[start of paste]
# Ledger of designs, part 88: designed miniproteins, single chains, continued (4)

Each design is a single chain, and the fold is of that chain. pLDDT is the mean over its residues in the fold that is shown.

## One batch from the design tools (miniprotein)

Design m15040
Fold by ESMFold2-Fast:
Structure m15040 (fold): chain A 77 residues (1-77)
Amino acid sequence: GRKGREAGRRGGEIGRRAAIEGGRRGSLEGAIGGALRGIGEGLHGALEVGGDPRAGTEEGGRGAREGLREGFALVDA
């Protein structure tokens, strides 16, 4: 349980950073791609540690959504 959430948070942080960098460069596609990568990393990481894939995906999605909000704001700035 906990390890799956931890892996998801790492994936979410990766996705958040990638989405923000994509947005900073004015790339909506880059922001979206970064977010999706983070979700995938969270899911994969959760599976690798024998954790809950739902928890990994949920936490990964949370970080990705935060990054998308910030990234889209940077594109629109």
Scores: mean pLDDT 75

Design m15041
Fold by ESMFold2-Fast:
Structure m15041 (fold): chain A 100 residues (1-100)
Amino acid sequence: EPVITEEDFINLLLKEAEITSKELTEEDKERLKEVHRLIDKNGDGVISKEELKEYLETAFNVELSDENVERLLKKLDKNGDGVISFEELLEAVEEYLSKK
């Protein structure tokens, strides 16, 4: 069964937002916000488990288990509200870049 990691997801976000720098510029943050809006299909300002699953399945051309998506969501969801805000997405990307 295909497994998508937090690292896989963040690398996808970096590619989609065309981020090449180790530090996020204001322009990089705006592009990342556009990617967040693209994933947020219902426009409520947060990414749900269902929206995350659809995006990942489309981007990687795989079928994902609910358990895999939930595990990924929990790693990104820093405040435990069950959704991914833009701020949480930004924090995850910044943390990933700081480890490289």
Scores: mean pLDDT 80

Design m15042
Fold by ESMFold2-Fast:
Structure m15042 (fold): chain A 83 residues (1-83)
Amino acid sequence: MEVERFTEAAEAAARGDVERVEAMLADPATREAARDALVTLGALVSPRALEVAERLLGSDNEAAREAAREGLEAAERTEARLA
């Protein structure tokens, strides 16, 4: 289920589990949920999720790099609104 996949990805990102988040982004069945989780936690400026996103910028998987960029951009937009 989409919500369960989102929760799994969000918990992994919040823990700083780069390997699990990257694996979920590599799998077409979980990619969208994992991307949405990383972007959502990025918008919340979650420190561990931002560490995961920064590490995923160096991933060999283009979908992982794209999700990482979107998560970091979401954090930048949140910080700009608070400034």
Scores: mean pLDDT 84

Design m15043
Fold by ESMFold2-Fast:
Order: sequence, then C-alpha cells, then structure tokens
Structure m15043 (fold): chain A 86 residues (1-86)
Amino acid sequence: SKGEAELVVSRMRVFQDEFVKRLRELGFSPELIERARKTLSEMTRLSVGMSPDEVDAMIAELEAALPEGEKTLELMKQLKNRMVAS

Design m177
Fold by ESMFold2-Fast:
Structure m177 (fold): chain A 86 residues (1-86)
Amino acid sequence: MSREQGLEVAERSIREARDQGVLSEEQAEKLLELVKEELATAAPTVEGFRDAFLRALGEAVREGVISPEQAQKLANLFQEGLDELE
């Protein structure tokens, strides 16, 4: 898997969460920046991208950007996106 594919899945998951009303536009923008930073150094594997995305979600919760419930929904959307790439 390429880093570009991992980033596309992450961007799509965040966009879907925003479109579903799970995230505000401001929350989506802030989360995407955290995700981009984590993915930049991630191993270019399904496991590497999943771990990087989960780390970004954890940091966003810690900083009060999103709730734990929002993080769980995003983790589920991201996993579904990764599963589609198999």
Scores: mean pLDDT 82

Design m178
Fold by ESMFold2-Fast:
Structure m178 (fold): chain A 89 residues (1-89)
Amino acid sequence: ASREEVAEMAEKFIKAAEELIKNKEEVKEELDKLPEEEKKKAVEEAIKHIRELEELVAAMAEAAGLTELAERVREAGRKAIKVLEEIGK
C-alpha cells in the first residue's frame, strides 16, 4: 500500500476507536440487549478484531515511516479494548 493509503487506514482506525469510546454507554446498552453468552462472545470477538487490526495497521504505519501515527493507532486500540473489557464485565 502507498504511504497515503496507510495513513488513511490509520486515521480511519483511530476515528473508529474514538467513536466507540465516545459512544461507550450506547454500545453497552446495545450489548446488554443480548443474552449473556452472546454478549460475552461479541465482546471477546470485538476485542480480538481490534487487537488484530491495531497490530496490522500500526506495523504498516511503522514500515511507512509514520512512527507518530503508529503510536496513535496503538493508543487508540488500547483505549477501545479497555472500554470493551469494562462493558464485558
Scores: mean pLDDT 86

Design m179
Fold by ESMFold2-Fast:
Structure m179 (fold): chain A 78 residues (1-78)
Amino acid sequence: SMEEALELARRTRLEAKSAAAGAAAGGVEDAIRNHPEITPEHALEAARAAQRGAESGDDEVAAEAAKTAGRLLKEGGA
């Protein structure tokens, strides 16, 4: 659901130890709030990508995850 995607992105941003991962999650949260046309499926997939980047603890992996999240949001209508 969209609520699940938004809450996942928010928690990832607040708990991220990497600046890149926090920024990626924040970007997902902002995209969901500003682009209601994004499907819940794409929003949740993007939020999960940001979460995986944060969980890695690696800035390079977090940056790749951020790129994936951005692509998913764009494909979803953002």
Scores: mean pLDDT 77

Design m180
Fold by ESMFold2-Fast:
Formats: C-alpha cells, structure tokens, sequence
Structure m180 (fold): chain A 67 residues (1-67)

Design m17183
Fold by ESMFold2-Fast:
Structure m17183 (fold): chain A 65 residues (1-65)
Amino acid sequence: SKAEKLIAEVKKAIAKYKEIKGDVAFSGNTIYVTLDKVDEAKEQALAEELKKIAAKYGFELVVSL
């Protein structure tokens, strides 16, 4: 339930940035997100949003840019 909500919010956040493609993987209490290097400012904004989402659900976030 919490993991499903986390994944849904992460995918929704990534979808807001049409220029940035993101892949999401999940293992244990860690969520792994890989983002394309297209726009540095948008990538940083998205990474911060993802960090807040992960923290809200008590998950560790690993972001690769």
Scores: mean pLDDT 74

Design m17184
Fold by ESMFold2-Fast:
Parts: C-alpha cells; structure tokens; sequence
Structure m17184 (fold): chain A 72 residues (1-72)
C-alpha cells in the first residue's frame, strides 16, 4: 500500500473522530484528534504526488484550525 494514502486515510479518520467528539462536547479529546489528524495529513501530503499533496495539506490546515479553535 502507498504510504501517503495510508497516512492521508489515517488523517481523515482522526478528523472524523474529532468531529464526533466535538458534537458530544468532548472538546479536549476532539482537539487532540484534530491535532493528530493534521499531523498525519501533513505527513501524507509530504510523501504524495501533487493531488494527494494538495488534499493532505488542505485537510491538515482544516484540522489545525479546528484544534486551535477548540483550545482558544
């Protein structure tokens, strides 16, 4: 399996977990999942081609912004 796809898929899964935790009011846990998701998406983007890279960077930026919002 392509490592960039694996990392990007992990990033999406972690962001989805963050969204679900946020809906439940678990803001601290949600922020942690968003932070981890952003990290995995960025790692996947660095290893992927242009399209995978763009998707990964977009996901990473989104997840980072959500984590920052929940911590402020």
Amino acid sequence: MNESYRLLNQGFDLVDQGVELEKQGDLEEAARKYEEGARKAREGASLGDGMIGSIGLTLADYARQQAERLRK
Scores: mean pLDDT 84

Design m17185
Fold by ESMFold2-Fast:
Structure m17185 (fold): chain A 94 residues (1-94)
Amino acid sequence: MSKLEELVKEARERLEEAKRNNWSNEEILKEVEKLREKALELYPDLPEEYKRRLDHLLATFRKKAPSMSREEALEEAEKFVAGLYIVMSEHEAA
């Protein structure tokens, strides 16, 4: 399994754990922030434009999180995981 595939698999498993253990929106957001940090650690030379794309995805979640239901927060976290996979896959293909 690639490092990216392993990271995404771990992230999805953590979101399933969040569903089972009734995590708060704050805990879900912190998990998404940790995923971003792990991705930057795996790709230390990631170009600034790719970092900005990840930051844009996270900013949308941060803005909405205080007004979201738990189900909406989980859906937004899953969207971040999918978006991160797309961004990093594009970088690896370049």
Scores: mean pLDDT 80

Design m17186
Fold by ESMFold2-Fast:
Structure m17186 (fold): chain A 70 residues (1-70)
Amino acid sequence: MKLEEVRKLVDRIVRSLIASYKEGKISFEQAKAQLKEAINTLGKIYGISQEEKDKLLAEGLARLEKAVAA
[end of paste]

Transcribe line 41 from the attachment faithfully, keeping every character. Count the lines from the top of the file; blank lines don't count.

Structure m179 (fold): chain A 78 residues (1-78)